Today, Fedora 12 was released (November 17, 2009). This is perhaps one of the most significant Fedora releases to date, for a few reasons. A lot of performance enhancements under the hood make this a much more tightly optimized release for x86 (32bit) systems. The 32bit support is now compiled for i686 and enhancements have been made to handle Intel’s Atom processor, the same processor that powers the majority of netbooks currently available, which will make Fedora even more attractive on that platform.
One complaint that many have had with Fedora in the past is the sheer volume of updates that are provided during a Fedora lifecycle. Almost every other day there are updates for security, bug fixes, and enhancements. Fedora 12 takes away some of this pain with a few changes:
- RPM packages are using XZ for compression, instead of gzip, which allows for smaller RPM packages. Smaller packages = smaller downloads = faster downloads.
- The presto plugin for yum that was optional in Fedora 11 is now enabled by default in Fedora 12. So when you do download a large number of updates, the amount you’re downloading will be considerably smaller because presto uses RPM deltas; the deltas only contain files that have changed, and not the entire archive. Typically this results in about 60-80% bandwidth savings, but with RPM now using XZ, it could result in even more (compared to a non-presto enabled Fedora 11, for example).
KVM has been overhauled quite a bit and boasts a lot of improvements to performance, security, and resource handling. New tools are available to permit accessing guest disk images from the host system directly.
Improvements in this area will be welcome news to laptop users who use Bluetooth occasionally but are conscious of their battery usage as well. Bluetooth services are now run on-demand and 30 seconds after the last device was used, are stopped. This prevents the use of resources and battery power when Bluetooth is not in use, without sacrificing the ability to have it there when you need it.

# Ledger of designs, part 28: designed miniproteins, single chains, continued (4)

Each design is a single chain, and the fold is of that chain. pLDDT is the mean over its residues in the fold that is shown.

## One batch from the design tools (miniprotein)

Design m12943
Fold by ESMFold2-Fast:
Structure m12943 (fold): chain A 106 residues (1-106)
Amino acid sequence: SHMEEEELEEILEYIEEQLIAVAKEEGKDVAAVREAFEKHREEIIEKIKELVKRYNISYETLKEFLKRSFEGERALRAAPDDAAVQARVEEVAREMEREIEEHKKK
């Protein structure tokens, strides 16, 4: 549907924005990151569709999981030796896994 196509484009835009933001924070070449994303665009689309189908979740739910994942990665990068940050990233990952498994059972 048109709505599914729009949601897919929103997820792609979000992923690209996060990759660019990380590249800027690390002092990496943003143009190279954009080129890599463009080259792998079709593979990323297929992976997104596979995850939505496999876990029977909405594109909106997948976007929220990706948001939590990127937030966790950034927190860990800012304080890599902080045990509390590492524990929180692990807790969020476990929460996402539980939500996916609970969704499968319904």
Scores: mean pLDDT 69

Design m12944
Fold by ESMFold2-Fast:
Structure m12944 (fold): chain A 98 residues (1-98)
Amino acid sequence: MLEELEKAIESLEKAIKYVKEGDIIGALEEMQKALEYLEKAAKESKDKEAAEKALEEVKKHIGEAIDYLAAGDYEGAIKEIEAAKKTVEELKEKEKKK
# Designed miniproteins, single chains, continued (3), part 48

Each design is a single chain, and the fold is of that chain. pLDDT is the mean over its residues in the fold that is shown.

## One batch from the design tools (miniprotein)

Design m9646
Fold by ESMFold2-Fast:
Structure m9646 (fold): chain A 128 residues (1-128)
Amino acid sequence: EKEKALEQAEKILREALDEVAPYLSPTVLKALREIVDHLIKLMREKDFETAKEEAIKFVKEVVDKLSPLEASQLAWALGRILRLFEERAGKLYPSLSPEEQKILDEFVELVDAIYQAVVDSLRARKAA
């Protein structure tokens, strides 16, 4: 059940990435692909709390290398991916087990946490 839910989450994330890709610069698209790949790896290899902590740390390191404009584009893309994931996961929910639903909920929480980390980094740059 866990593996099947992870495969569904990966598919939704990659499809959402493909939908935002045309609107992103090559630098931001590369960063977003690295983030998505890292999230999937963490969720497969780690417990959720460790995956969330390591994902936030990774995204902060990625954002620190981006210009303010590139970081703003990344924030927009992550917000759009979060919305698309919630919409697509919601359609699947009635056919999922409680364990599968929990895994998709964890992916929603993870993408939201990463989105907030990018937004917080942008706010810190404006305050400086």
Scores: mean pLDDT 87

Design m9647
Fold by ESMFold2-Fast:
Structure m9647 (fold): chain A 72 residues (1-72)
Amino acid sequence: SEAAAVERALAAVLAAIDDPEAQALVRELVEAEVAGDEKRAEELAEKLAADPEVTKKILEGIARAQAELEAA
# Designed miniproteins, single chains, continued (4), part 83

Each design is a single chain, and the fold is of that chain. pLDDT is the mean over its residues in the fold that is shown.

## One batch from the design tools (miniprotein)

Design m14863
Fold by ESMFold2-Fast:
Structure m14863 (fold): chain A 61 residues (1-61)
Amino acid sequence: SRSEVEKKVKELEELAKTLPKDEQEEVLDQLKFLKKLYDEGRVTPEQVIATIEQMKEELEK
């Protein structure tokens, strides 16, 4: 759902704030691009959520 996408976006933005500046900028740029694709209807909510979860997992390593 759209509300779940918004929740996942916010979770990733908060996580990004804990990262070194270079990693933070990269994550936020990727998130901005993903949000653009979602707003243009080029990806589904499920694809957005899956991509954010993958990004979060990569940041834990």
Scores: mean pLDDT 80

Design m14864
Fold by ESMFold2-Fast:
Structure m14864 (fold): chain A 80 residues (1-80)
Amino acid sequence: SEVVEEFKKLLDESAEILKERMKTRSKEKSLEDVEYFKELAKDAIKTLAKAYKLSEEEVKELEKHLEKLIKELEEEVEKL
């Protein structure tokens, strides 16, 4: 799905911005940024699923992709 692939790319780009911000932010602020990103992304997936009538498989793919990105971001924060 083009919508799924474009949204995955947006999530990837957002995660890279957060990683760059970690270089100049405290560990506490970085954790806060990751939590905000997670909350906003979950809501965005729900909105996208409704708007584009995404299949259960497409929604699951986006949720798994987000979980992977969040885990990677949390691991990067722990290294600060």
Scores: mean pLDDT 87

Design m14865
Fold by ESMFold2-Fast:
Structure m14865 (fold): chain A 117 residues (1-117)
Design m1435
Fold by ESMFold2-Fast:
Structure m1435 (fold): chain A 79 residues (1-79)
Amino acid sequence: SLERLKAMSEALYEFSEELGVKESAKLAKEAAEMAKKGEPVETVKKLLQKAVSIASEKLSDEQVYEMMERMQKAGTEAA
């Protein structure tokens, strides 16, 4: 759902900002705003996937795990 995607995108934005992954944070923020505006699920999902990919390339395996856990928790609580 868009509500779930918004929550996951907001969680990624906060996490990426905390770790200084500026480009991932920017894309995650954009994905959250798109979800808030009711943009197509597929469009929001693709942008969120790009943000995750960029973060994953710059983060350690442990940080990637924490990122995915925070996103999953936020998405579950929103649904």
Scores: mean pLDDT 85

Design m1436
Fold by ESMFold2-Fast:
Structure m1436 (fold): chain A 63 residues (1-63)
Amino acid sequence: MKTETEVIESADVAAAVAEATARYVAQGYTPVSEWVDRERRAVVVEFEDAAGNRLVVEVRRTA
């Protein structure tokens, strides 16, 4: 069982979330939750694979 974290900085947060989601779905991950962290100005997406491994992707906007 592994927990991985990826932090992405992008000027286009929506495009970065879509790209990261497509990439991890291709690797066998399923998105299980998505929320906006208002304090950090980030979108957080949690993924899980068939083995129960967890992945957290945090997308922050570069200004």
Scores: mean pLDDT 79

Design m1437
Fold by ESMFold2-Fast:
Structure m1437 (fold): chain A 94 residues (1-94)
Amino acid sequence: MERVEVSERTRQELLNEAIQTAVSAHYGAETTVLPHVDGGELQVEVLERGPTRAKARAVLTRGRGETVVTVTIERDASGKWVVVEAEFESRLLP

One of my favourite new features of Fedora 12 is Abrt. Abrt is a tool that helps people report bugs and provide a lot of information that the average person would be hard-pressed to provide on their own. For instance, if Abrt notices an application has crashed, it collects detailed information about the crash (such as a backtrace and other relevant system information), and it will assist the user in reporting it to Bugzilla, without them ever having to go to Bugzilla themselves, or by reporting via email.
This is incredibly useful as it will help developers track down bugs and correct them faster, which benefits the entire open source community. Similarly, the SELinux AVC monitoring tool also has the ability to now report SELinux policy violations to Red Hat’s Bugzilla as well, which will help to create more comprehensive SELinux policies to ship with future Fedora releases.
On the graphical side, Fedora 12 sports GNOME Shell as a preview. You need desktop effects enabled (requiring accelerated 3D graphics), but Fedora 12 also has available experimental 3D support for certain graphics cards that you would have had to use proprietary drivers for in the past.
These are, of course, just a sampling of a large set of major new features in Fedora 12. I’m quite excited about this release as I’ve not been by previous releases, and I think it’s due to the extensive reporting tools more than anything else. With the ease of bug reports to be made, and SELinux violations that can result in subsequent policy tweaks, this will lay a firm foundation for even stronger releases in the future. A full list of major new Fedora 12 features can be found on the Fedora wiki, and I think you’ll find there is something for everyone there, whether you use Fedora for a home desktop, a workstation, or a server.